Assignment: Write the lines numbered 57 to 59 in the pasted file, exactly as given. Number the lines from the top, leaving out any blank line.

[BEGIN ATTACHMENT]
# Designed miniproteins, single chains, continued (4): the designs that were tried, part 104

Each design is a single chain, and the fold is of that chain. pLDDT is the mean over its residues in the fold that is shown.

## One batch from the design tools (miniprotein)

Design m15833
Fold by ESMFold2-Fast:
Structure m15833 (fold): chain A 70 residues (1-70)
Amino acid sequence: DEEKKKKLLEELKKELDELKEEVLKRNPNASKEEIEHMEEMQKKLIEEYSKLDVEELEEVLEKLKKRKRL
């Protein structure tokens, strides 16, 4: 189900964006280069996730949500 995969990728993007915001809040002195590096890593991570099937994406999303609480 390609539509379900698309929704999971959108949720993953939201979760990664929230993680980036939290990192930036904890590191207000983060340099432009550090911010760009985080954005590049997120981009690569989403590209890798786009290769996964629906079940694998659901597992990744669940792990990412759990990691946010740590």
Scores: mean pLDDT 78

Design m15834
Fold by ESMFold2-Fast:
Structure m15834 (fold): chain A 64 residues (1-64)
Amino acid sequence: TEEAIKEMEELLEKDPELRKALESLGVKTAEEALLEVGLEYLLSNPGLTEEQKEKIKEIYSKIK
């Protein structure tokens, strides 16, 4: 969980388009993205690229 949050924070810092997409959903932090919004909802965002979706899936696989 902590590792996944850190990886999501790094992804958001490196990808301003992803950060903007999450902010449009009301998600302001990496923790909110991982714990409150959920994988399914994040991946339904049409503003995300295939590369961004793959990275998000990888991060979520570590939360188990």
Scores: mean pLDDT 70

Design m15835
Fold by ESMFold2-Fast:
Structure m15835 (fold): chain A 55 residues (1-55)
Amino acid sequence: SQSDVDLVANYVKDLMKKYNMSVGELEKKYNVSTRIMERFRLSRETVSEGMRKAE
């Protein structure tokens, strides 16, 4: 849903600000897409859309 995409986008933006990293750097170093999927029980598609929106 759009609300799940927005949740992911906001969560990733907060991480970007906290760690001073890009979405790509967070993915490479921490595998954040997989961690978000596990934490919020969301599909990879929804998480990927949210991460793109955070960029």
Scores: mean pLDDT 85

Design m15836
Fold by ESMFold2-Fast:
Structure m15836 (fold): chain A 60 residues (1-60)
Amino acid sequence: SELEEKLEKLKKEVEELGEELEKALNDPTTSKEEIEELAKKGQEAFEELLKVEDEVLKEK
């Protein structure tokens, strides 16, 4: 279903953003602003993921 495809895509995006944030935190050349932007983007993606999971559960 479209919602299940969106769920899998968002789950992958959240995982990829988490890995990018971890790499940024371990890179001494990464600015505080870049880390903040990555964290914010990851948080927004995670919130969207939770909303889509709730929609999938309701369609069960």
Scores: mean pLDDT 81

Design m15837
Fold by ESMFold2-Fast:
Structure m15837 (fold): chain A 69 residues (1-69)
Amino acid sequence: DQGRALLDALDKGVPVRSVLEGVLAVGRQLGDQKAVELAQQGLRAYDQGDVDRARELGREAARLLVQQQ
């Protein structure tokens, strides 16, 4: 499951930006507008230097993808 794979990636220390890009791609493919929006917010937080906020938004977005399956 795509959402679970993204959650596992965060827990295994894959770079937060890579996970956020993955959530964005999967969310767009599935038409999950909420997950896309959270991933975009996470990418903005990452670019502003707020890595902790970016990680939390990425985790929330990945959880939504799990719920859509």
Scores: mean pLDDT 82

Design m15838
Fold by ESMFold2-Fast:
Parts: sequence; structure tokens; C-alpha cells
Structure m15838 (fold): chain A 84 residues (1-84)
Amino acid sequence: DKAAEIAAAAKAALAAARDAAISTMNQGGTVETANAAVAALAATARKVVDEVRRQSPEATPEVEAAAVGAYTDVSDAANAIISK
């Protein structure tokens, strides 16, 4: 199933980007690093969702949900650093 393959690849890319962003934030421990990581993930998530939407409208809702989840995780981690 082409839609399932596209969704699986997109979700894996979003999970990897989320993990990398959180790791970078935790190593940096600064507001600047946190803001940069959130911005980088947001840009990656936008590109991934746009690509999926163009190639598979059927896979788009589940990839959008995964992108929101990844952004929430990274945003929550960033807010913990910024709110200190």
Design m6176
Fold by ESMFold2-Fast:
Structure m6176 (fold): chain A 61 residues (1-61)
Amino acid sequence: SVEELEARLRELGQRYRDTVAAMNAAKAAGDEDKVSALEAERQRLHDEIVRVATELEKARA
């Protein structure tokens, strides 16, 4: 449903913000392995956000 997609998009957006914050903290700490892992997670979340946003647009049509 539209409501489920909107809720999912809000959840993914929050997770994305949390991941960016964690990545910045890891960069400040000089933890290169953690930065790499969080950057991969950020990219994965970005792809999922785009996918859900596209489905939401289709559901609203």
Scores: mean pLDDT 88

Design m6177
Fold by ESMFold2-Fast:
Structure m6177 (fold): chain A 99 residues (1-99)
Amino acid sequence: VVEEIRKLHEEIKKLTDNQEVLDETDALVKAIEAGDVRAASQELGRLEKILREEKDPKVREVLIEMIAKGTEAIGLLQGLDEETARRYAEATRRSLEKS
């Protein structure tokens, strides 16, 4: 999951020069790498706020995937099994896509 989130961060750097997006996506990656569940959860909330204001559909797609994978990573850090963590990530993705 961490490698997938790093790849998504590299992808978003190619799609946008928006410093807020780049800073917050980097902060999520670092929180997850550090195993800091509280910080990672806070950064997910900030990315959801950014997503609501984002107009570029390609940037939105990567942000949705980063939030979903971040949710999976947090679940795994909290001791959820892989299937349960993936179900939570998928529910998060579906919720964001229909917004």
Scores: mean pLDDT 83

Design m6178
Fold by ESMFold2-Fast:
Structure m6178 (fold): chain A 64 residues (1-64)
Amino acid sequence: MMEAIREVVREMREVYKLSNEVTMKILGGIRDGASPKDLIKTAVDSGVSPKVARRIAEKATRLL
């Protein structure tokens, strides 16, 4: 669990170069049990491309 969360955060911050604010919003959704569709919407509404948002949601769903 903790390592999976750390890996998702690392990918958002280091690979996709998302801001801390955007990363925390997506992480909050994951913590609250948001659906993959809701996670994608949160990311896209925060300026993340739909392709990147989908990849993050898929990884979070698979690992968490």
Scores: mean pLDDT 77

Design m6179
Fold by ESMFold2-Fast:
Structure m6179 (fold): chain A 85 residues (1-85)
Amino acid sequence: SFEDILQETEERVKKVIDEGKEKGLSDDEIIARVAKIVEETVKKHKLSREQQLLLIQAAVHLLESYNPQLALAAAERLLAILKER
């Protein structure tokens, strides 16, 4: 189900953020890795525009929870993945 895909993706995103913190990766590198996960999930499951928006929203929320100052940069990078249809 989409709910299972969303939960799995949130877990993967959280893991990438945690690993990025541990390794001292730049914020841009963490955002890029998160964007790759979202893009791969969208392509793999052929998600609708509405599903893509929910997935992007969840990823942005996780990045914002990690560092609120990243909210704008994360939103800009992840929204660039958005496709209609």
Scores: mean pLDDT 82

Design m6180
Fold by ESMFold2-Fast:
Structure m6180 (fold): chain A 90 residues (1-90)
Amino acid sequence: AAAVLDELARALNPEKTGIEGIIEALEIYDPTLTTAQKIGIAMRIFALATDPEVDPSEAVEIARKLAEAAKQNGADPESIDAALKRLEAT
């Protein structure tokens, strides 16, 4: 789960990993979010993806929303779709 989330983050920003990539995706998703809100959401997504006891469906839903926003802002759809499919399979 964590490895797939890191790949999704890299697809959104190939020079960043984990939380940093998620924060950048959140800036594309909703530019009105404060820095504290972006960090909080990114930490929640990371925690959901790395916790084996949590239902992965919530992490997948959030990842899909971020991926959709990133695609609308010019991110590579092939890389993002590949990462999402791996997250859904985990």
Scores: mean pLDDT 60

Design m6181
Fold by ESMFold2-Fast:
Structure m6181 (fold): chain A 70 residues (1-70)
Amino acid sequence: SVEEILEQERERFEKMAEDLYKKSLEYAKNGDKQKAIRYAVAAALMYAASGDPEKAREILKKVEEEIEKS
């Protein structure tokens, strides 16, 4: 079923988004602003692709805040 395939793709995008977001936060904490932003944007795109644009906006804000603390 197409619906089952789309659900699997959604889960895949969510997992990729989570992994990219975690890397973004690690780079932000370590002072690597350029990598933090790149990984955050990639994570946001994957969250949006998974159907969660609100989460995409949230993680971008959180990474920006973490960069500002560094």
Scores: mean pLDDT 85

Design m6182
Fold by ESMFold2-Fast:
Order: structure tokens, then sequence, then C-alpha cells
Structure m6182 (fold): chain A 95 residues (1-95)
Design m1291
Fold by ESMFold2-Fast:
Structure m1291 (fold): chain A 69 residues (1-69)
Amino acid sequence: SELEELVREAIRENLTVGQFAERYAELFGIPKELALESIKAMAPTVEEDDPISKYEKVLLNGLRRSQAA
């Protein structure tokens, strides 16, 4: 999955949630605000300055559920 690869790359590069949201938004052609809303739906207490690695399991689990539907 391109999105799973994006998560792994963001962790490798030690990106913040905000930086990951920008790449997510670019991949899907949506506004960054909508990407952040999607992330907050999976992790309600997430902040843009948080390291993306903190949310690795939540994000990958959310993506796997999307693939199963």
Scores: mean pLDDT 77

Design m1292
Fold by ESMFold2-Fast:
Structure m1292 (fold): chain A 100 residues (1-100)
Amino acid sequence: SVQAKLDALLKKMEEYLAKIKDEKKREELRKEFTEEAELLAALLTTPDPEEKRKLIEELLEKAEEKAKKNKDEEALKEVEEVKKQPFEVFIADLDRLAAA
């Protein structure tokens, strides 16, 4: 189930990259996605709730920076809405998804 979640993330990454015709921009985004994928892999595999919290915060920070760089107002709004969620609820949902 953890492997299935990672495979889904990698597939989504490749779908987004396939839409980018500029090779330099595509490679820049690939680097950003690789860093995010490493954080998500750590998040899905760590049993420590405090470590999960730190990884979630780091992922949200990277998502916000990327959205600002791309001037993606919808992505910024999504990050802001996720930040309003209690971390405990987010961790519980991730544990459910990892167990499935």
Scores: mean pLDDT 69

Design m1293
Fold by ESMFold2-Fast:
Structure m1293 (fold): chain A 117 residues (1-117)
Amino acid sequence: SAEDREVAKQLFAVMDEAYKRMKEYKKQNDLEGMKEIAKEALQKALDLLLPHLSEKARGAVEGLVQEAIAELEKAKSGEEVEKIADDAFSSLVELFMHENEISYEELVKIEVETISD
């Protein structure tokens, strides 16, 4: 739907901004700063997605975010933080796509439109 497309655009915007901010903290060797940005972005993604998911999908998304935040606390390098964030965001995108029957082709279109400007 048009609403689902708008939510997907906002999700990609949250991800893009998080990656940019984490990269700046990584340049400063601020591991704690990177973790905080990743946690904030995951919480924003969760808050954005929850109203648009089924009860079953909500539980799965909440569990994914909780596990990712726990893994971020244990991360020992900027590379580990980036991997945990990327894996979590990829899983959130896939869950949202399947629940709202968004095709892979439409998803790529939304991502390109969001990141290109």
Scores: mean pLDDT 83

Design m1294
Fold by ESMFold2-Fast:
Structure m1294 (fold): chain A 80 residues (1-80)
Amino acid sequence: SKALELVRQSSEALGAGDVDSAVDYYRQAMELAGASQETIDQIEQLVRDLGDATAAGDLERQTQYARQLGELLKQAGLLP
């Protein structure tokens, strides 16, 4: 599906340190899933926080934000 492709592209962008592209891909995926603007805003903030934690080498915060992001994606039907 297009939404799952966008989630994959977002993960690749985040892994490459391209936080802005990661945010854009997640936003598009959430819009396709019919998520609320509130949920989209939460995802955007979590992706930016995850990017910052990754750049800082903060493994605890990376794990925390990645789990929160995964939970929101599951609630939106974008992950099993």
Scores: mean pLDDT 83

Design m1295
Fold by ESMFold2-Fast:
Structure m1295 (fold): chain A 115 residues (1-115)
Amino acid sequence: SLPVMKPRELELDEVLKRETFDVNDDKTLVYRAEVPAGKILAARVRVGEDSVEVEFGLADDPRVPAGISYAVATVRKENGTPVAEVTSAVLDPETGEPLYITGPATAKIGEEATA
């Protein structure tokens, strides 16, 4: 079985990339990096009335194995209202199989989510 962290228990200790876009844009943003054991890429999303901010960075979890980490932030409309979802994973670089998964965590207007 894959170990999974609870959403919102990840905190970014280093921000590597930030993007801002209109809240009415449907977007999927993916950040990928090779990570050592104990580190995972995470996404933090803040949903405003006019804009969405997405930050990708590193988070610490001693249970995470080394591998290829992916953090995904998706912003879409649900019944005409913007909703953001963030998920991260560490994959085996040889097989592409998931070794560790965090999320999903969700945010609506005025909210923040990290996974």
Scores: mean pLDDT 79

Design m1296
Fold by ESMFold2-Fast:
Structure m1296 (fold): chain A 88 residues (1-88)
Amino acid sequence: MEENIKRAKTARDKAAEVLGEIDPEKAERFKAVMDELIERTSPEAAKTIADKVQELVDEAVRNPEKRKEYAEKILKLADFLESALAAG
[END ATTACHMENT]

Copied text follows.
Scores: mean pLDDT 77

Design m6179
Fold by ESMFold2-Fast: